The Scout is one of the best-balanced shapes of any cruiser-type motorcycle made, successfully carrying forward the lines and proportions of the 1928 Scout to work in the modern world, as the designers intended. The headlight is basically a copy of the one used on pre-war models, and the forward-slanting fuel tank maintains the original Scout’s go-fast look.

We were first given the chance to ride the Scout on the winding roads of South Dakota’s Black Hills then got one back at our Southern California HQ for full instrumented testing and more mileage. The seating position is right on for a 5-foot-10 rider, with a comfortable reach to the bars and foot controls, and Indian offers fitment options for riders at the far ends of adult sizes. The stock solo leather seat is grand, and after a long day on the road there was none of that burning-cheek feeling. (A passenger pad and pegs are available.) The non-adjustable hand levers are well placed, and the mirrors provide a good rear view, though adjustment tended to wander if the stalks weren’t set to allow the mirrors to be in the center of their swivel-ball adjustment range.

The Scout is smooth and swift from a dead stop. The EFI is crisp across the rev range, transitioning from on-off changes without the hesitation or glitch. The throttle has a linear, almost rheostatic relationship to engine output. At low rpm, engine vibration is close to nil. At high revs, particularly 5,000 rpm and up, the engine did produce quite a bit of a buzz. At 70 mph in sixth, the Scout engine is smooth, but a few testers sensed some buzz at 75-plus.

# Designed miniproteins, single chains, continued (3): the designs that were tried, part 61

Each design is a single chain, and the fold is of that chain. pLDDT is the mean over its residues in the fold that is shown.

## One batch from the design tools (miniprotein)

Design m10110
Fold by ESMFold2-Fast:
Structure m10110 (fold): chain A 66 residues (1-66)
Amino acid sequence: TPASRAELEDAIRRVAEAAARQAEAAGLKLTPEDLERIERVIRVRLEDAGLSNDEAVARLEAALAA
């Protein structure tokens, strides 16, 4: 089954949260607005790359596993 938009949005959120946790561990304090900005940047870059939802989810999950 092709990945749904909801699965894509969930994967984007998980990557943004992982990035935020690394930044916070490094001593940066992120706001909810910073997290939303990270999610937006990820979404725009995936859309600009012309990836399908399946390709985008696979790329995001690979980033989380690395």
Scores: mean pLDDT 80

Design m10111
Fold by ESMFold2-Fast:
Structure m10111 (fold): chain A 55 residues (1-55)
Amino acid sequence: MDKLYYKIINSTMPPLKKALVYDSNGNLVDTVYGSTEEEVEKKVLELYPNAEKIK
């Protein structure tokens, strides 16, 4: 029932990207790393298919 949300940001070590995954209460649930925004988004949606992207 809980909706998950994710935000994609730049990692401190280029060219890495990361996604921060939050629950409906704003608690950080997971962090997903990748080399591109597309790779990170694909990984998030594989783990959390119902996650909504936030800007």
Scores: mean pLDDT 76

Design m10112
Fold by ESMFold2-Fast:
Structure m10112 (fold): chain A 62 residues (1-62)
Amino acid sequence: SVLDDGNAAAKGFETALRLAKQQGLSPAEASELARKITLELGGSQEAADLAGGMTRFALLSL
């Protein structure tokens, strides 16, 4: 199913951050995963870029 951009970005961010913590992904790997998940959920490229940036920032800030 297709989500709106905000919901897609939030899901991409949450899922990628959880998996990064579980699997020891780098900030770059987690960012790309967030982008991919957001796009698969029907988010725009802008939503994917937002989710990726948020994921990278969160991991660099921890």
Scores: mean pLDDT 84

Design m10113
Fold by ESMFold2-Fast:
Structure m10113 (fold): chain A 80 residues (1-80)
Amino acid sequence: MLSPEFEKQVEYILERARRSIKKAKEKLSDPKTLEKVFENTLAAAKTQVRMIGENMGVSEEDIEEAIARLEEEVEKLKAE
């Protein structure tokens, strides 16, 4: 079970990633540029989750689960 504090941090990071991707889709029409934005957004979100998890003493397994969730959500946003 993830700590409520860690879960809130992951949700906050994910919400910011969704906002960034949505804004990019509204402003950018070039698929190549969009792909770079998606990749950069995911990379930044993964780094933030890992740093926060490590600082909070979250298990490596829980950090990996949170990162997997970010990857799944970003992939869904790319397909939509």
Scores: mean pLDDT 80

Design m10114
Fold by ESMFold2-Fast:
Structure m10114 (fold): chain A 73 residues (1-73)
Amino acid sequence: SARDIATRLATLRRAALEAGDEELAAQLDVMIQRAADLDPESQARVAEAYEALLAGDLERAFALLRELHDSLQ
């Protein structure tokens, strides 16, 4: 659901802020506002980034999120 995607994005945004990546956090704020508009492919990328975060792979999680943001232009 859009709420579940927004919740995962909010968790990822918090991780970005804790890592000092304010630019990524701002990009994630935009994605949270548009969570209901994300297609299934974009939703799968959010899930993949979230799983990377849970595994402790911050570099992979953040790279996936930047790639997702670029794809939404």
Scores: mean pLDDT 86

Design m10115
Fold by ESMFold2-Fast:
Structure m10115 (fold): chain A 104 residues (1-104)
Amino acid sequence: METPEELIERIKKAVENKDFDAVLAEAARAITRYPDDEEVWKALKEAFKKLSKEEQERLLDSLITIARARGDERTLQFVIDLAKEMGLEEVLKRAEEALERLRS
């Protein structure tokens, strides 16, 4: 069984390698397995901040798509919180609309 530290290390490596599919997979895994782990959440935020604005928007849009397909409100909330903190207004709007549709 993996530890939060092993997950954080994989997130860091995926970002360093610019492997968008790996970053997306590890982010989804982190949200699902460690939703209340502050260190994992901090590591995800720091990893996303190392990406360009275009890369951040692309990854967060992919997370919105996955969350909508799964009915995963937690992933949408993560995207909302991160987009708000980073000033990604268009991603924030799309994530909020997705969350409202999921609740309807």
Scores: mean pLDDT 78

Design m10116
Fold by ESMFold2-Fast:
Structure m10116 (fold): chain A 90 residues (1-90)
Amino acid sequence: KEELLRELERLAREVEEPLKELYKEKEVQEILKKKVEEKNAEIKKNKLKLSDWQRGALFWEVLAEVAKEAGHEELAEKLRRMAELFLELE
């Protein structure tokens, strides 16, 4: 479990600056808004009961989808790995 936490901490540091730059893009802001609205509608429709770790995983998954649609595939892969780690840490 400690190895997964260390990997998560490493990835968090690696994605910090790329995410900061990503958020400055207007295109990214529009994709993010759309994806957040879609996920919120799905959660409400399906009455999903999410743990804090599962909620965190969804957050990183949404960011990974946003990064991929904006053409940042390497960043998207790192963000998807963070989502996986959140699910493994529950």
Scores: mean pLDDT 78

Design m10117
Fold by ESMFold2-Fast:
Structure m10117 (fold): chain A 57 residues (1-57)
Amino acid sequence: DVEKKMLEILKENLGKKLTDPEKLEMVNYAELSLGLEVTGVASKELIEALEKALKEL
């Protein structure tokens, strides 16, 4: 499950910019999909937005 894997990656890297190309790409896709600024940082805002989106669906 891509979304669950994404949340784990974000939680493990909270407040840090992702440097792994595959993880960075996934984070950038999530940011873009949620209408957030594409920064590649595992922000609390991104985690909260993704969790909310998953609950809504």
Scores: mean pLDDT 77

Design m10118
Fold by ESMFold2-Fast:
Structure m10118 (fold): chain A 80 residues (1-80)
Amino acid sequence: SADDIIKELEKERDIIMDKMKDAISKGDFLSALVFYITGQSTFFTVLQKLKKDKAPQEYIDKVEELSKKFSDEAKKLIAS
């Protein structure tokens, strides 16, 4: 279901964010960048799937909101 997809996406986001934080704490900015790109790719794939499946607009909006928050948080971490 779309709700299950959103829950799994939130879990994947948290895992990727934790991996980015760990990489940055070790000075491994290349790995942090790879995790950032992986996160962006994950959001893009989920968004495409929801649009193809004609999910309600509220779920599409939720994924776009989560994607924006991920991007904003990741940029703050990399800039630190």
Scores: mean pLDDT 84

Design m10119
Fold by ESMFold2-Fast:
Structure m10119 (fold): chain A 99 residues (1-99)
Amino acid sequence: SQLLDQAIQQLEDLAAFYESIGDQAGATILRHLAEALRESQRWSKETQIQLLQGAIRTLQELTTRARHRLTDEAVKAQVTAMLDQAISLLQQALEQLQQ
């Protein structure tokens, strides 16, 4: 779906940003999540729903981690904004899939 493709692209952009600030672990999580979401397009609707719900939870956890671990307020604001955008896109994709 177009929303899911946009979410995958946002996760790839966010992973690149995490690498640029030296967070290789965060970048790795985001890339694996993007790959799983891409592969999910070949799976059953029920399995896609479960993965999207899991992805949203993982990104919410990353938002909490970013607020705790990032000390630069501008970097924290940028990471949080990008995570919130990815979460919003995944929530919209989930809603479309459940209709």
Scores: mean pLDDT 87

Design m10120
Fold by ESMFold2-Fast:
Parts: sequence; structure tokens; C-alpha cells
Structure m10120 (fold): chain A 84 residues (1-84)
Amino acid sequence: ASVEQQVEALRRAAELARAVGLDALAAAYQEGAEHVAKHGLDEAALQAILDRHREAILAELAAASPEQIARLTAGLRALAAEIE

On the quiet end of the rev range, the Scout is tame and can be ridden as a comfortable, easy-to-handle cruiser for beginners, or it can be railed down a twisty highway as a low-slung performance bike, perfectly behaved at both ends of that scale. Third gear works great for bombing corners on a winding road, and 6,500 to 7,500 is the sweet rev range for instant-on power and prime engine braking. This is not air-cooled V-twin instant low-end response like from a 1200 Sportster.

The transmission on the Scout we rode around Sturgis was certain and smooth with short throws and no missed shifts. The 450-mile testbike we got in California was inconsistent on the 1-2 upshift and could be a bit vague on other shifts. We’d like to see more positive shift action front this gearbox.

It’s surprising that a bike so heaped with historical responsibility can also be such a hoot at bombing the twisties. The 16-inch tires work great with the well-damped suspension to make for sure handling and no skittishness in fast corners, with neutral chassis behavior even when trail braking hard down to the apex. Cornering clearance is decent for the class, but the handling character makes you wish for more lean angle.

Steering at low speeds is light and precise, and the low center of gravity rewards the use of both brakes. Although the single front disc has good feel and light effort, a second front disc would be welcome.